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I remember reading a book about private piloting techniques, (I can't remember the title; it has been so long; perhaps I can check my library history or something to see later), and I saw something bizarre.

The author was discussing instruments, and what to do in case of failures. He wrote something about how, in the case of a failure of a critical instrument, in a situation where you really need it, that one should punch out (or otherwise destroy) the glass of the gauge, to allow air into the system.

What?

Is there any way something like this could be useful, or at least theoretically logical? Can anyone deduce any sense out of this?

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    $\begingroup$ Ah, the old percussive maintenance. $\endgroup$ – dotancohen Oct 21 '14 at 14:23
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    $\begingroup$ Yes, it's a thing, but many airplanes today have an alternate static source that can be switched on instead... $\endgroup$ – Brian Knoblauch Oct 21 '14 at 16:38
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    $\begingroup$ Once while I was flying a C172 or PA28 there was a gauge I was suspicious of the reading. When I tapped the face of the gauge with my fingers a couple times, the needle set itself to about where I thought it should be. I believe it was the oil pressure gauge and after the tap it matched the (illuminated) low oil pressure annunciator. $\endgroup$ – Ed Griebel May 19 '15 at 17:53
  • $\begingroup$ Low oil pressure? Not good! $\endgroup$ – Bassinator May 19 '15 at 20:43
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If the static port gets blocked in an aircraft with no alternate static port, you can break the glass of the VSI (Vertical Speed Indicator) to allow air from inside the cockpit in the static system. By doing this you will sacrifice the VSI in favour of the altimeter and airspeed indicator

Due to venturi effects, air inside the cockpit has usually a slightly lower pressure than the pressure measured by the static port outside your aircraft.

This causes your altimeter to indicate a higher altitude and the airspeed indicator will also indicate a greater speed. The VSI is useless after you break it.

Needless to say this does not apply to pressurized cabins nor to glass cockpits...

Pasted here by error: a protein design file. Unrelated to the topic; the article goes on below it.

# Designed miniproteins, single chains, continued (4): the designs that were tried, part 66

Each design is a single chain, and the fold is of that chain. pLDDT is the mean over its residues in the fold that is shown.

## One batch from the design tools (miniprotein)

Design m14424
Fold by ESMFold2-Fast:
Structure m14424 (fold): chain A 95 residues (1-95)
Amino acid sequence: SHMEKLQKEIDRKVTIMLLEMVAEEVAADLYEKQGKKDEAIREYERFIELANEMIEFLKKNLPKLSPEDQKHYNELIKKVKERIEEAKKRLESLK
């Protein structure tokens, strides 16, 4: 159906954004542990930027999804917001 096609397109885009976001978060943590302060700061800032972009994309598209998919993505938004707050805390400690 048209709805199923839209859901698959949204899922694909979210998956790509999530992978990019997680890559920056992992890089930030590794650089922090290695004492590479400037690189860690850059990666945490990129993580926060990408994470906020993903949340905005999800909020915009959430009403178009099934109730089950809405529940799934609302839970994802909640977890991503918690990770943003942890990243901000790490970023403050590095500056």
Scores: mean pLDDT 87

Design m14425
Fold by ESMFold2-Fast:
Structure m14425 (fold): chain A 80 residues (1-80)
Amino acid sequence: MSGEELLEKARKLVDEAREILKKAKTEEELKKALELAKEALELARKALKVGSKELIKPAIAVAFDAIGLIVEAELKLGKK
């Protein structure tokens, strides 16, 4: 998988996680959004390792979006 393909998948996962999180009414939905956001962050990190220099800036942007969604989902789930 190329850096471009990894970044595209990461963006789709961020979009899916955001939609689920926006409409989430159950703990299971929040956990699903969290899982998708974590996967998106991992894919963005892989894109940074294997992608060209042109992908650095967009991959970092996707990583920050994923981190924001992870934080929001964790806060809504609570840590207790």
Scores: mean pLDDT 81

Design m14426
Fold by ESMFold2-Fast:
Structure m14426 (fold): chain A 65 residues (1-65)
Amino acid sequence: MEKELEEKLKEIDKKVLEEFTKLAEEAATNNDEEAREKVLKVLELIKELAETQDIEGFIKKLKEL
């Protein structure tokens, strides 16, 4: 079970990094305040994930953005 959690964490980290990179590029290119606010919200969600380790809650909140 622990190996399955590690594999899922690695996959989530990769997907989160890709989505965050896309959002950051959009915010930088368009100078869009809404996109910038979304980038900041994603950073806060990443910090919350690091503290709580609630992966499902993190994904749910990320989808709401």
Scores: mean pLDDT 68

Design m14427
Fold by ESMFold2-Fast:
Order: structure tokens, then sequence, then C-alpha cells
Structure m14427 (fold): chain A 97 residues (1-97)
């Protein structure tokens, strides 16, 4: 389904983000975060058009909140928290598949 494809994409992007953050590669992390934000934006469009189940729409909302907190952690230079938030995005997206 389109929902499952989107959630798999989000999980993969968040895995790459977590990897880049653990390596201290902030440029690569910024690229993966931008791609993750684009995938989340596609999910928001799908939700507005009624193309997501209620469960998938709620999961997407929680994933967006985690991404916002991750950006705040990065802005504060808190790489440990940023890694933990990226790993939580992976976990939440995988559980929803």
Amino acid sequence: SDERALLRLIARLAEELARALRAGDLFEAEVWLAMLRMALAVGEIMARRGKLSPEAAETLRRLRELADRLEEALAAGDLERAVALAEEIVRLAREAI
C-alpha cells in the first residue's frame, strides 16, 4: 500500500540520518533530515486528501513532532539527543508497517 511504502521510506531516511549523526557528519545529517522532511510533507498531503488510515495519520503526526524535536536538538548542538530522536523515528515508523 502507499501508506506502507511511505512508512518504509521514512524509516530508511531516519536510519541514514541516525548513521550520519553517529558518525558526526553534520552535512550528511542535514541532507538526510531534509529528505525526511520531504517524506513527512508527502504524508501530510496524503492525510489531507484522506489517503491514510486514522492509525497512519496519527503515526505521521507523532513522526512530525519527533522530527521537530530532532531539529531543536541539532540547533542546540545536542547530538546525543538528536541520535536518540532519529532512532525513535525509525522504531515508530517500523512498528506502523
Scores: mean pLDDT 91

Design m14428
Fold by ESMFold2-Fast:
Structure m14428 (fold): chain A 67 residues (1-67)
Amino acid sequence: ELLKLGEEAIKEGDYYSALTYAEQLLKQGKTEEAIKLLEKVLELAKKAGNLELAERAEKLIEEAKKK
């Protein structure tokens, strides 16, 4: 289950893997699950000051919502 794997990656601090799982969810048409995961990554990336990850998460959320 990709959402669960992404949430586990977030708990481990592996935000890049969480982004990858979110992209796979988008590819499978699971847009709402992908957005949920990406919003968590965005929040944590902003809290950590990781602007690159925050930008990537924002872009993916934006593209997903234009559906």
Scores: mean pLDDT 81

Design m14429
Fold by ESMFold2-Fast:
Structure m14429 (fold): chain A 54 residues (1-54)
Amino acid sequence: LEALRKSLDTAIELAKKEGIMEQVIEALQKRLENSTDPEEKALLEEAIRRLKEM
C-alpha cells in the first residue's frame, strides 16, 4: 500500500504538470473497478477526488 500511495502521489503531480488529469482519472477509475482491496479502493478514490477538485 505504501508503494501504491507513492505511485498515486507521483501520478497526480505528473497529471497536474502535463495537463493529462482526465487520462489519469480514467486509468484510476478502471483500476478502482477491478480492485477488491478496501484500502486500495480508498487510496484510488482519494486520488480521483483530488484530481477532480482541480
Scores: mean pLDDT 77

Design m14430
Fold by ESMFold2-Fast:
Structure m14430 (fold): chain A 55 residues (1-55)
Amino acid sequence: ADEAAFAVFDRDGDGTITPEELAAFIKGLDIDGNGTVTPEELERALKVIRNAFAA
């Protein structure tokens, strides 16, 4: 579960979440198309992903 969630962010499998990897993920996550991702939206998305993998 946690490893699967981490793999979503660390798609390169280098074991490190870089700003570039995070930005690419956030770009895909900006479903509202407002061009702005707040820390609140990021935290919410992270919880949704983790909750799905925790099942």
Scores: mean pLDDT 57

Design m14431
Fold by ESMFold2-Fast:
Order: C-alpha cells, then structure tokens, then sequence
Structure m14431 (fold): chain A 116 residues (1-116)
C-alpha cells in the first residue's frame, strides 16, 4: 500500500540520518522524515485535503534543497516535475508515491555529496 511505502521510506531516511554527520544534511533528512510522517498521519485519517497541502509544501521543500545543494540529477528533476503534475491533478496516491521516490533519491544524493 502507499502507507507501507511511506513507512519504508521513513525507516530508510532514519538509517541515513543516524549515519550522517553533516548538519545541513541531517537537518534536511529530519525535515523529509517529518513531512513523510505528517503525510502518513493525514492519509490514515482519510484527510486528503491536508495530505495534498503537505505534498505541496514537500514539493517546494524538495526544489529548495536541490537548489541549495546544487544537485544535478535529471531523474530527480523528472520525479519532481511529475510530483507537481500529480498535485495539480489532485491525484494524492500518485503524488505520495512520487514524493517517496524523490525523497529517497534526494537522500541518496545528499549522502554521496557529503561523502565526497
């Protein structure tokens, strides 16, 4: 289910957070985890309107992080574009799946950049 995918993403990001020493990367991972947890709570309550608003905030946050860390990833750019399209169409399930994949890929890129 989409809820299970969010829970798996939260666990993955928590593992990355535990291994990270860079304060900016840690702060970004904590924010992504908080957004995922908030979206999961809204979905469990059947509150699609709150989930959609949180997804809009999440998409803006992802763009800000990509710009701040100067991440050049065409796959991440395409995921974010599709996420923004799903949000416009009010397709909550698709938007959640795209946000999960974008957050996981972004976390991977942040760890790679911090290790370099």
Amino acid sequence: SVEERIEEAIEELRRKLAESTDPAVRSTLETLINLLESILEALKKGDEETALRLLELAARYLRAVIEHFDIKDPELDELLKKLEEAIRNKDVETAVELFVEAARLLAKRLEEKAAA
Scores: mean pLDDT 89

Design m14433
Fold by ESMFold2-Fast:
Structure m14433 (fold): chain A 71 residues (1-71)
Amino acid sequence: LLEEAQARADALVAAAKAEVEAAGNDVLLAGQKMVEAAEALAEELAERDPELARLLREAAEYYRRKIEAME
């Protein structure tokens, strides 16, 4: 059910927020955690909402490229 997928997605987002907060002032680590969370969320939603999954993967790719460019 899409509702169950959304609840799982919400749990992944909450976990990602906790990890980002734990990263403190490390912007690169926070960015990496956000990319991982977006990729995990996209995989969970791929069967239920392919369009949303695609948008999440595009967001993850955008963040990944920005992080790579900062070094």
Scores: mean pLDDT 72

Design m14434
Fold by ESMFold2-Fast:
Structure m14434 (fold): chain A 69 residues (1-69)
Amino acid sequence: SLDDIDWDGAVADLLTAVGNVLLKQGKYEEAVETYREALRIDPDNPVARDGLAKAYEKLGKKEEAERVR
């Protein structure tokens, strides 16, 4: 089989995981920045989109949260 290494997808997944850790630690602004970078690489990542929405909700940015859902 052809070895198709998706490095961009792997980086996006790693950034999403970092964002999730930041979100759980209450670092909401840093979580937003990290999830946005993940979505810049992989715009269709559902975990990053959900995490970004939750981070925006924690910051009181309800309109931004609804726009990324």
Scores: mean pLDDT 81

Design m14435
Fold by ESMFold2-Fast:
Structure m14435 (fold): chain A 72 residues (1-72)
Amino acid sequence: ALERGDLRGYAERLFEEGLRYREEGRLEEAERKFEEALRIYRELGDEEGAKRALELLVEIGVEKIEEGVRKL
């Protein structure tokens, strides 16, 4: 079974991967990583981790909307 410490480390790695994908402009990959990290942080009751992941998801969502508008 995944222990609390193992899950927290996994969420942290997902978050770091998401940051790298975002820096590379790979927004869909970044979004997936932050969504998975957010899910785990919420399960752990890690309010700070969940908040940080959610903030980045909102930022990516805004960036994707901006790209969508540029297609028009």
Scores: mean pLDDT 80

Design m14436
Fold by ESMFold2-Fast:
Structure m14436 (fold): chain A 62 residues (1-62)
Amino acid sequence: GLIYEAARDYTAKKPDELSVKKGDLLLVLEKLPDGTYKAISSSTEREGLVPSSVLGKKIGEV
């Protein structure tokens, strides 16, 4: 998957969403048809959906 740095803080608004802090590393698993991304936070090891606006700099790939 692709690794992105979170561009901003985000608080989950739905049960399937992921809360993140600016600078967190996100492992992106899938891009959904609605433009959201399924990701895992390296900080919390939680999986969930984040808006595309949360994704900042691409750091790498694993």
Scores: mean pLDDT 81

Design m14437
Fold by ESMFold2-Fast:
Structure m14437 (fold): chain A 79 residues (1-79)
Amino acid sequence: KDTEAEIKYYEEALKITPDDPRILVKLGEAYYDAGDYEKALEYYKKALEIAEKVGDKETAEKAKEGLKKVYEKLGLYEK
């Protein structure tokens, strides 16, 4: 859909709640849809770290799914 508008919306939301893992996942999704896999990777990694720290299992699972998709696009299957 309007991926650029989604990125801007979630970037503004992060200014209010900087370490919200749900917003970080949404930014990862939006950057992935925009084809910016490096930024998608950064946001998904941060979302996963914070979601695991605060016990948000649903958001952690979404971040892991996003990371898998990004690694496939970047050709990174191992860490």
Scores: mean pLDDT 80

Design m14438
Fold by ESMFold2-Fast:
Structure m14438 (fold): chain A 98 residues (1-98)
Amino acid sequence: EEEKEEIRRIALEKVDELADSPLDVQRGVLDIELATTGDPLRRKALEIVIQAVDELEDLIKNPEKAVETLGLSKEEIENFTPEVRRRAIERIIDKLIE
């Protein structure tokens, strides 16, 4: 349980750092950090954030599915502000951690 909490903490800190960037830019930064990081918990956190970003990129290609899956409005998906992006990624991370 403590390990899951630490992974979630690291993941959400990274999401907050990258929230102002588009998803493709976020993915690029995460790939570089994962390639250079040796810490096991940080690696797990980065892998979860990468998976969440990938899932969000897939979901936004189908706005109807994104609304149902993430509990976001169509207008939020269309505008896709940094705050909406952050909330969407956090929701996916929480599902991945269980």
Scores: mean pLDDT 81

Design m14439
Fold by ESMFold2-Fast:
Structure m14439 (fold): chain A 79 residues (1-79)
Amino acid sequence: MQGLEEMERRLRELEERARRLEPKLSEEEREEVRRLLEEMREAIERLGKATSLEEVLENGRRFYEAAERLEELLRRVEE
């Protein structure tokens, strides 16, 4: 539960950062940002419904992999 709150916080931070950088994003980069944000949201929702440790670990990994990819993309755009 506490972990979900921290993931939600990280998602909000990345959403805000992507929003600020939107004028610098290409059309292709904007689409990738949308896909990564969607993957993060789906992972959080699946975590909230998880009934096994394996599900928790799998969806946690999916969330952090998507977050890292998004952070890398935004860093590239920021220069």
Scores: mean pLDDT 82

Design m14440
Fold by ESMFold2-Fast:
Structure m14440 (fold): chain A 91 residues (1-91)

This works because the inside of the VSI contains a diaphragm in a pressure chamber. The diaphragm is connected to the static system through an unrestricted tube. The chamber is connected to the static system through a restricted (calibrated) leak. If the static pressure changes, the pressure in the diaphragm changes instantly, while the chamber pressure lags slightly behind. This causes the membrane to expand / retract which drives the needle on the instrument.

When the glass is broken, the chamber will be at the same pressure as the cockpit. Through the calibrated leak, the static system will be levelled with the cockpit pressure, but of course with a delay as well. The VSI will now work in opposite direction (if you didn't destroy the needle).

IVSI

The inner workings of an IVSI

Some VSI apparently have the calibrated leak into the cockpit already. For such VSI's smashing the glass does not work. Here the diaphragm should be destroyed as well.

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    $\begingroup$ As the old adage goes, those in glass cockpits shouldn't thrown punches. $\endgroup$ – corsiKa Oct 21 '14 at 21:27
  • $\begingroup$ I wonder how many people would be able to work out if it was a dynamic or static problem they were facing? $\endgroup$ – Simon Apr 4 '15 at 21:18
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The FAA Instrument Pilot Handbook (11-8) mentions this as an alternate source if you lose your static source (not vacuum).

That said, I don't think every VSI is identical. I have seen arguments that some are not vented the same way and may not provide a valid static source.

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    $\begingroup$ Ach, thank you for clarifying that this is NOT for vacuum, but static. $\endgroup$ – Bassinator Oct 20 '14 at 23:58

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